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Picturing Crater Lake in winter

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Artist in residence at the national park recounts his experience

At the end of a blustery late-winter day near the rim at Crater Lake National Park, I looked up and saw a shape in an icy snow bank that looked to me like an ancient spirit figure set off against the dark sky.

I pulled my camera out of my pack, walked from side to side looking for the best angle, and snapped the shutter. I knew I had to seize the moment because by the next day the snow and sky would have changed and this scene would be gone.

This image fit perfectly into my "up close and personal" approach to nature photography. I try to focus on specific details to draw the viewer's attention, especially in a place like this national park where the lake itself has been photographed in big landscape shots literally millions of times.

This photo was one of my first in a spectacular eight-day stay at the park last April as artist in residence. Like a number of other national parks and monuments, Crater Lake each year accepts applications from artists to spend up to two weeks creating work that can be used in publications, websites, exhibits or other ways to increase public enjoyment and understanding of our natural treasures.

I stayed in seasonal staff housing near the park headquarters, a short walk from the beginning of the snowed-over east rim road. The location was perfect because even though spring was in full force down in the Rogue Valley, it snowed nearly every day in the park, with daytime high temperatures often in the 30s. Each morning at first light, I strapped on my snowshoes and headed out for the day to see what I might find to photograph.

On one crystal clear, windy day after a night's snowfall, I snowshoed off trail to the back of Garfield Peak and over to Dyar Rock. I started in woods but soon was traversing pristine white meadows without a single footprint. With the rim road closed to traffic, there was a magical silence whenever I stopped crunching the snow.

On another day, I took a nine-mile round-trip snowshoe to Sun Notch, being sure to watch for potential avalanche conditions after photographing around Vitae Falls, which was mostly covered with snow. When I reached the rim, the view down to the small island known as Phantom Ship came and went as snow squalls blew across the lake.

In my off-trail wanderings I took "up close and personal" images of staghorn lichen, blue ice, windblown ridges in the snow, dripping icicles, and Union Peak revealed through a hole in a snow bank.

One afternoon, I encountered a beautiful gray-crowned rosy finch that, true to its name, stood out because of its unusual pink color against the jagged, icy blue snow.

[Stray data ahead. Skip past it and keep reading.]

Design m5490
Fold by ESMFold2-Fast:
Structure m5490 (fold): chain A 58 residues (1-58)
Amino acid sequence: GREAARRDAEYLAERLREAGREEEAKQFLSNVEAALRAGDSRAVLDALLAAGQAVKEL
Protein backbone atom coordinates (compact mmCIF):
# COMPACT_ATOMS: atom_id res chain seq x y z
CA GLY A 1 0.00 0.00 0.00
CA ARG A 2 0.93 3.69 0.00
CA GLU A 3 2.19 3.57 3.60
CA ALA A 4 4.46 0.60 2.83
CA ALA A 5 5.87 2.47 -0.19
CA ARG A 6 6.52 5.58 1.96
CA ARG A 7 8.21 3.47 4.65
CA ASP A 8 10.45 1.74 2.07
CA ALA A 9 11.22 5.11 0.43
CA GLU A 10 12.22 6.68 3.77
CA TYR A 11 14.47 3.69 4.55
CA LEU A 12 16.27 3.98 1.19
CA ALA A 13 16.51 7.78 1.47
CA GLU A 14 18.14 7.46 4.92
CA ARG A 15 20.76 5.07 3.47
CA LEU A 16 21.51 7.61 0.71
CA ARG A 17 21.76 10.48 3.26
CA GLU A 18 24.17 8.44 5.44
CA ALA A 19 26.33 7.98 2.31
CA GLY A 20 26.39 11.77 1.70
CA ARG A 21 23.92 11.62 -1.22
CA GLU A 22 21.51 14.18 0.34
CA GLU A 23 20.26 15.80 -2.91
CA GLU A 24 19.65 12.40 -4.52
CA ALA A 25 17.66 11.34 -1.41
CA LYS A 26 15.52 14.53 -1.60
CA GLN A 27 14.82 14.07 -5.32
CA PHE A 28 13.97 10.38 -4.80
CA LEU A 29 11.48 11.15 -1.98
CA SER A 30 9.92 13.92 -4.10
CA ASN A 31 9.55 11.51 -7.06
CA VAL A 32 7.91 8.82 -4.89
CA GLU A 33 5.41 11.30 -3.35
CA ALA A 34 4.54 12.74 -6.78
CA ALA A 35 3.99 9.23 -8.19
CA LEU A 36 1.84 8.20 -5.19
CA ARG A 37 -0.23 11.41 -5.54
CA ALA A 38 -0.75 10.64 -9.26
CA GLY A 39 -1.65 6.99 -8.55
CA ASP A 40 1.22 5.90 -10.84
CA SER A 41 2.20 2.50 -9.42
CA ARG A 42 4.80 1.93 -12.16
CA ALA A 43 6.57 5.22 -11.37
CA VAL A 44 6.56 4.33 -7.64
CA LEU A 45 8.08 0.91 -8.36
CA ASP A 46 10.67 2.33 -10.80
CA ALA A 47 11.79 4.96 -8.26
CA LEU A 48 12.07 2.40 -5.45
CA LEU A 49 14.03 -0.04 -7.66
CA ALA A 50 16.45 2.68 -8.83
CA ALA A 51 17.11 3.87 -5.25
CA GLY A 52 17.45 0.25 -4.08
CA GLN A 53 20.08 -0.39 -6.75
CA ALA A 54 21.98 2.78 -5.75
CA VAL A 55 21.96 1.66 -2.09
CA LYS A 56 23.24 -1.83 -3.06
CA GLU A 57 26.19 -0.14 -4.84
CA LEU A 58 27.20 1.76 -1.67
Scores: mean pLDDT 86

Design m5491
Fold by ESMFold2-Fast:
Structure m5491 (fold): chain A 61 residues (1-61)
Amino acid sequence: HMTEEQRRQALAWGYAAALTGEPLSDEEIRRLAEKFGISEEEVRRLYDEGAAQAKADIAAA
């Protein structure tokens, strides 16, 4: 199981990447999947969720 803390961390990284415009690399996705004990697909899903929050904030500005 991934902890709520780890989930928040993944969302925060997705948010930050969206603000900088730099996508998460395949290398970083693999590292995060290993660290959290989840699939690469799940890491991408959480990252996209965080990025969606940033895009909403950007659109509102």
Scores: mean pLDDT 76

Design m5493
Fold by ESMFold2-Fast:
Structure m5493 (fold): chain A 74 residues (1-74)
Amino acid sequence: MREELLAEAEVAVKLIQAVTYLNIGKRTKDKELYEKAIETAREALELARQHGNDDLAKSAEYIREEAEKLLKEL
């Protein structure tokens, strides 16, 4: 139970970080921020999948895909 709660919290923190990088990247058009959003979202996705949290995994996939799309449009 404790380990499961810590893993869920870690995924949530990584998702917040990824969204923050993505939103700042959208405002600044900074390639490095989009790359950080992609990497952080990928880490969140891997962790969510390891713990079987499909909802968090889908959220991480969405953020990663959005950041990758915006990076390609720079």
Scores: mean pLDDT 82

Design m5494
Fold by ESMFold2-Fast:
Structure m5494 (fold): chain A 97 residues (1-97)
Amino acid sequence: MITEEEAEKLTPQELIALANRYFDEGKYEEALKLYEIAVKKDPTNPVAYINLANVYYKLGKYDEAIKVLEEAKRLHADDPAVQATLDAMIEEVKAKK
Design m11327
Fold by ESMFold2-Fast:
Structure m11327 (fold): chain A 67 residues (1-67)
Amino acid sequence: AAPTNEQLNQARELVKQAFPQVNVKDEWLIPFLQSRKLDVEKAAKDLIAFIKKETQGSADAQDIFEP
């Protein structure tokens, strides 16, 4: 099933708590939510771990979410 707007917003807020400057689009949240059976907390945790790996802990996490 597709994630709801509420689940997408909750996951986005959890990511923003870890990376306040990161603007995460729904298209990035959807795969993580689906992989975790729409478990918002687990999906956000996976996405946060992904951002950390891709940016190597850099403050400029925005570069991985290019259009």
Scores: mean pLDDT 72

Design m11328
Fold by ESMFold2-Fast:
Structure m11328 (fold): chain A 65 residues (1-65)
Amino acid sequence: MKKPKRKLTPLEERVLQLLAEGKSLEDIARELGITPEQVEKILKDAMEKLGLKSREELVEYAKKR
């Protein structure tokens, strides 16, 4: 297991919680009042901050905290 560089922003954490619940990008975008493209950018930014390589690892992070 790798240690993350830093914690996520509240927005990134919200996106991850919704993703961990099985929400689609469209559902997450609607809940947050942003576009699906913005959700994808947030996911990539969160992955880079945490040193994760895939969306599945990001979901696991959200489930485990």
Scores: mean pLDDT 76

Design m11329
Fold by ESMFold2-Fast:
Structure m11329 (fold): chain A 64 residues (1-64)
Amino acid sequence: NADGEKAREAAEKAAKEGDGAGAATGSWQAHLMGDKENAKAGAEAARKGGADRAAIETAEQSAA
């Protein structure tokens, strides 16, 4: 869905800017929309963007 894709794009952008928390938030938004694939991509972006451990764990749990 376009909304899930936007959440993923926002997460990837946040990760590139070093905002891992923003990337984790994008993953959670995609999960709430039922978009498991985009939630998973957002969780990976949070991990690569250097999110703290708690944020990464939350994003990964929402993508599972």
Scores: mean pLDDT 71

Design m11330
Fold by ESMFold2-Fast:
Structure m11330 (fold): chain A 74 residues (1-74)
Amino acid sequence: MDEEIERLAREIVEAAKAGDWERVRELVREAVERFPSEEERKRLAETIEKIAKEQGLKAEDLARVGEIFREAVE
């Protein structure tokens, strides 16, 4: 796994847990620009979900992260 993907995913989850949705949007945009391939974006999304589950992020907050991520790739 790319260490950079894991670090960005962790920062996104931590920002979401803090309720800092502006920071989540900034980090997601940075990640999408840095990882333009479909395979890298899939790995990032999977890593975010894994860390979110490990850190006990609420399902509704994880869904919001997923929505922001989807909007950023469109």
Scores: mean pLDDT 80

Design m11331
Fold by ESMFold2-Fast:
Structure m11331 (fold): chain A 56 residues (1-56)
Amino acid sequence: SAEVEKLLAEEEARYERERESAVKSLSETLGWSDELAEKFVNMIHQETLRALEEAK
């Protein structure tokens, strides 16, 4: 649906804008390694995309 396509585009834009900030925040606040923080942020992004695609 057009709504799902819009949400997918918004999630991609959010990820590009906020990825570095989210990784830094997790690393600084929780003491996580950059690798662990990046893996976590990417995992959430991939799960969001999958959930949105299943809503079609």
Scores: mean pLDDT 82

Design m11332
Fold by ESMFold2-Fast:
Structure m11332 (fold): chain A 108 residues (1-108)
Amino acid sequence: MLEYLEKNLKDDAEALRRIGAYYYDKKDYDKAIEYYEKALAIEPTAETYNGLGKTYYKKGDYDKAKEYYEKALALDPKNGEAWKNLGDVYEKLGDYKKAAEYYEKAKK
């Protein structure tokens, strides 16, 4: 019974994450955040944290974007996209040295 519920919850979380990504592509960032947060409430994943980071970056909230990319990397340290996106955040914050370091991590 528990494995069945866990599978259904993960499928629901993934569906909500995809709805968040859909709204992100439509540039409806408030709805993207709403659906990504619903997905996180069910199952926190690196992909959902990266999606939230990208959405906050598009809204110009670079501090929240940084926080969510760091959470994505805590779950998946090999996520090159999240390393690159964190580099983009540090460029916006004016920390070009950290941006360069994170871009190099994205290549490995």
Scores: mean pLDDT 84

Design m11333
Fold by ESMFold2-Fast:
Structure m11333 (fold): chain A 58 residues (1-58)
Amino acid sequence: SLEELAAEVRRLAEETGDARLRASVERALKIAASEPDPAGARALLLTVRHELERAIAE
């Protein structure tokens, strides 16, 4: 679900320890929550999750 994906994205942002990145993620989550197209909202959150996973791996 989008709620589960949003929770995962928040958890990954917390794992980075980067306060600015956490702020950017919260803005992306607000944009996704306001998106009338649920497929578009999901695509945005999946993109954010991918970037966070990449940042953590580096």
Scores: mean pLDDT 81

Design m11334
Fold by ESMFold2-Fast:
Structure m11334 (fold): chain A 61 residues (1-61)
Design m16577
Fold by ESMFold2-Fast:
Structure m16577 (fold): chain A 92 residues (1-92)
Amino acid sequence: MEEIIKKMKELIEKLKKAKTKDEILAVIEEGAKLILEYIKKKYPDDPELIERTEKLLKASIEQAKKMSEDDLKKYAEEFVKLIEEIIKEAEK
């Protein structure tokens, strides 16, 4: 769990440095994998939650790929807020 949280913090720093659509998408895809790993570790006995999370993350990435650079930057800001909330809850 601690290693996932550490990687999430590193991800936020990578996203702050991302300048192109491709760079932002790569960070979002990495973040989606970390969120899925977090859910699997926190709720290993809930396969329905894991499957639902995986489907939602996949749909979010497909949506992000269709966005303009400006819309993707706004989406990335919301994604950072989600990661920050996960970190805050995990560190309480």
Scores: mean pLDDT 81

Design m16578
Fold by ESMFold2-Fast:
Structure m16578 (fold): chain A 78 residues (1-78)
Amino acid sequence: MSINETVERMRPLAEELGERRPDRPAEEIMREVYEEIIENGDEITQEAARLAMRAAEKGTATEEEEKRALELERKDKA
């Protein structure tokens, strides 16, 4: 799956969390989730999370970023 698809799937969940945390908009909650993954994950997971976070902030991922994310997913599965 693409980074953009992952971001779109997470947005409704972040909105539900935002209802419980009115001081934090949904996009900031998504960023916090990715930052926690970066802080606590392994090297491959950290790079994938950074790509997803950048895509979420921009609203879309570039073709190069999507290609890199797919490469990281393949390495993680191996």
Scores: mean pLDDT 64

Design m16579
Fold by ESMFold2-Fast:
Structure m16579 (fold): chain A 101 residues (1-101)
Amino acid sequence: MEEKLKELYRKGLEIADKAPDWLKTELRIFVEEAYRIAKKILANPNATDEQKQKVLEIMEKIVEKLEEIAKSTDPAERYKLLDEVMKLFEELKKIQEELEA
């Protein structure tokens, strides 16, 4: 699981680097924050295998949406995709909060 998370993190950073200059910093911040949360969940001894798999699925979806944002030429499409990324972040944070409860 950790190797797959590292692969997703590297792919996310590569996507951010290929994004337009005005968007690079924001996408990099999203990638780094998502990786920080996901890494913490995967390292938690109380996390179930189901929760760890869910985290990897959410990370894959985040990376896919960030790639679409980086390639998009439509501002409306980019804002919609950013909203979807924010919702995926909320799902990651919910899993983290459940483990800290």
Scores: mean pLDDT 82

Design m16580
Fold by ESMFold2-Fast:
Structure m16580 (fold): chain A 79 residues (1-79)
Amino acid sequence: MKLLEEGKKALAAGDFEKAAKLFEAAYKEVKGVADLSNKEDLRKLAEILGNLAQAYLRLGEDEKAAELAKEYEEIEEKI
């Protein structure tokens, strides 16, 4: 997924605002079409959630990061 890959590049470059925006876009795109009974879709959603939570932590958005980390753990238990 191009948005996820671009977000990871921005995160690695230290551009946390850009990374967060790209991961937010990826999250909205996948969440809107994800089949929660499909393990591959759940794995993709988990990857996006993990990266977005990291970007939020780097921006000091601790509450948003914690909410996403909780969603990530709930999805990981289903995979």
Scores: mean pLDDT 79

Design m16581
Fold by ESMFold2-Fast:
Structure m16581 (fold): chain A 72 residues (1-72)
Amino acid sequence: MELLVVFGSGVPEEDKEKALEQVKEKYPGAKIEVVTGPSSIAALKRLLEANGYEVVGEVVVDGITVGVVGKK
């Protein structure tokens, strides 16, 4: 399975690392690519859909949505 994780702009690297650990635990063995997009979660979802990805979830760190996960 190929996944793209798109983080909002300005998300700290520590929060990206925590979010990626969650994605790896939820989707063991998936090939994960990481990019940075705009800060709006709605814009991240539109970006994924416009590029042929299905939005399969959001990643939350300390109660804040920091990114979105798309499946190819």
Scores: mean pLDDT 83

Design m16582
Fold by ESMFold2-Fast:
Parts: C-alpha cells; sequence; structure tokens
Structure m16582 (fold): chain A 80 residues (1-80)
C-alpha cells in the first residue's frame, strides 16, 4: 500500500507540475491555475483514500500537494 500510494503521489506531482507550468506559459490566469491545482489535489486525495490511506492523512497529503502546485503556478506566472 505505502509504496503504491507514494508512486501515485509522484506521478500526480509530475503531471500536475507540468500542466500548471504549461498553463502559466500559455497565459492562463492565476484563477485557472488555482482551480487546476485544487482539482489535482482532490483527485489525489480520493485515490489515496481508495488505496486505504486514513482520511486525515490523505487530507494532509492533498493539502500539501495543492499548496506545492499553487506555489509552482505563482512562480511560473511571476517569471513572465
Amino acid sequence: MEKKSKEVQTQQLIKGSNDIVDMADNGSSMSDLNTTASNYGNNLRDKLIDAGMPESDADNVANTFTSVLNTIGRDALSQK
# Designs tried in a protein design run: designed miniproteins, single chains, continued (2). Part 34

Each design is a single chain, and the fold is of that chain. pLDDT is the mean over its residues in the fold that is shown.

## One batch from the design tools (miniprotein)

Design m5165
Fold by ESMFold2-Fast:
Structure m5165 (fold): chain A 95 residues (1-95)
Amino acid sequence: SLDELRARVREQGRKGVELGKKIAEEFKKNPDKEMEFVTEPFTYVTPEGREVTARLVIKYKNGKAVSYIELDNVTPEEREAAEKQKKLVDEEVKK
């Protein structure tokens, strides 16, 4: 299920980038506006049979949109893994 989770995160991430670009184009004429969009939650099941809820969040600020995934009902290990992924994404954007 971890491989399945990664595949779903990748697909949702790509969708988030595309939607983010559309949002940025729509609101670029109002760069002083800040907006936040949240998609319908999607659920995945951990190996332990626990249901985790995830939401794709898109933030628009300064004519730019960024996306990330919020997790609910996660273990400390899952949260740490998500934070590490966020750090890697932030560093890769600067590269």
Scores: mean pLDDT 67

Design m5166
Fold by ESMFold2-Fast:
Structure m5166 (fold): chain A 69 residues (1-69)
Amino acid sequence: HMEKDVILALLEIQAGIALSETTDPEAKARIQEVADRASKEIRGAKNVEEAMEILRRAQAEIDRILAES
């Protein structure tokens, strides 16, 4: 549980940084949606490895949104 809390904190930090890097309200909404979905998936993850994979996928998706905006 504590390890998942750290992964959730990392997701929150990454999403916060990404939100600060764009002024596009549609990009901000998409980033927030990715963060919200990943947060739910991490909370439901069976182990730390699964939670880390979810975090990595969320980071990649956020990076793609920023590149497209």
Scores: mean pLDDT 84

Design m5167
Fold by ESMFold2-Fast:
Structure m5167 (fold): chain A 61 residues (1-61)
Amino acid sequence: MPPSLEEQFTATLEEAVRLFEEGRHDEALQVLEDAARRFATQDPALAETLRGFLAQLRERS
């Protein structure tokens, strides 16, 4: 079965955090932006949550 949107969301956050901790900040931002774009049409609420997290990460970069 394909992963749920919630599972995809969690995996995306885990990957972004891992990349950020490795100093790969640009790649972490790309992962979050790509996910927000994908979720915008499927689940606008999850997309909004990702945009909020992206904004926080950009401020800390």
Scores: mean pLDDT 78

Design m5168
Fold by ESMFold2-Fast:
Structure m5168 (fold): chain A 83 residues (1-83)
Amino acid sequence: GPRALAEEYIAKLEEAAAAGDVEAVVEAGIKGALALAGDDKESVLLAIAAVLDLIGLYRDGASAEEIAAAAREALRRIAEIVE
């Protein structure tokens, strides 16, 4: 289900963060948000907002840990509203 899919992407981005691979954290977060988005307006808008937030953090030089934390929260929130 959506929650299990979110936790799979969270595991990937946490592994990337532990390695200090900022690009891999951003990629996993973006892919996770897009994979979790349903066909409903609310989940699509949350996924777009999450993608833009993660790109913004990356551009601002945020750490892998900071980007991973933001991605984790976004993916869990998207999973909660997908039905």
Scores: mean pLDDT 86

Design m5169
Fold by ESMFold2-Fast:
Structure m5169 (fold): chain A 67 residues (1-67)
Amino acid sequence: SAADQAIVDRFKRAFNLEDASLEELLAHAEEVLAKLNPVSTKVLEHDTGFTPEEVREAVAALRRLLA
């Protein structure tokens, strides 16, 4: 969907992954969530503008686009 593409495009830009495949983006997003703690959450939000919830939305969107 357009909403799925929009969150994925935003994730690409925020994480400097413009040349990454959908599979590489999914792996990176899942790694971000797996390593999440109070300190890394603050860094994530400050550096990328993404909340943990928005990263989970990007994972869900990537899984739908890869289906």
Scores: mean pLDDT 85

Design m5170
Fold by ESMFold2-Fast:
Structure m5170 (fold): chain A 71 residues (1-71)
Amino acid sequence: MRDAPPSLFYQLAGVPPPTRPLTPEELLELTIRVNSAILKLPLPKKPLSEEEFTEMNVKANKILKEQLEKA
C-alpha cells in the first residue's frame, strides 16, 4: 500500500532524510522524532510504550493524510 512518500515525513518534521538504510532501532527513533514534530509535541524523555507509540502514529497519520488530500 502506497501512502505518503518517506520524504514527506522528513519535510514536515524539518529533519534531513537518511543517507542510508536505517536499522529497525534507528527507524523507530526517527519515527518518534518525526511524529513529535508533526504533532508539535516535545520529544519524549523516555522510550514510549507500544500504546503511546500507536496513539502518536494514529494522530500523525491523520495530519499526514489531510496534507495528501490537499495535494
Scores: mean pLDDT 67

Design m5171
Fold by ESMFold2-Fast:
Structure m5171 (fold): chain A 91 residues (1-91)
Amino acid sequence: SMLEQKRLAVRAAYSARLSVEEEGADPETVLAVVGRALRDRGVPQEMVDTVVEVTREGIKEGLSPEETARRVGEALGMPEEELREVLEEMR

On another, I came across a gray and black bird very purposefully digging with its beak into a specific spot in the dirt along the rim where snow had very recently melted. After digging far enough that its whole long beak disappeared into the hole, it came out holding a large yellow-orange seed.

I gave pictures of the bird in action to John Duwe, education coordinator in the park’s Sci-ence and Learning Center. He said it was a Clark’s nutcracker, a bird that typically lives in high elevation locations like the lake’s rim. In the summer and fall, each bird buries up to 1,000 caches of 30 seeds or more from whitebark pine trees. As it needs food during the lean months, it is able to find the specific caches it left, using trees, rocks and other landmarks for reckoning.

Unfortunately, climate change, along with other factors, may be contributing to a decline of whitebark pines, threatening the nutcracker’s future. Among other problems, mountain hemlocks that traditionally have grown at lower elevations may move up to compete for resources in the whitebark pine’s habitat as aver-age temperatures rise.

Duwe showed me how school classes from all over the region are engaged in citizen science by gathering basic data about the park’s mountain hemlocks. Stu-dents practice making graphs reflecting the drop in average annual snowfall at the lake from about 623 inches in the 1940s to about 380 inches in this decade, with the average rate of decline accelerating in recent times.

Then visiting students learn to scientifically measure snow depth around the hemlocks and the growth of needle and cone buds, carefully marking date and loca-tion so the data can be compiled and analyzed over time.

I was not surprised to hear about climate change’s impact on the creatures and plant life I was photographing, having learned about similar effects during stints as artist in residence in two other parts of Oregon — at John Day Fossil Beds National Monument and at PLAYA, an artist retreat center near Summer Lake.

In all three places, I was grate-ful as a photographer for the wondrous beauty of our public lands. I came home not only with many new images and memories, but also with heart-felt hope that our wild places will still be there for future generations.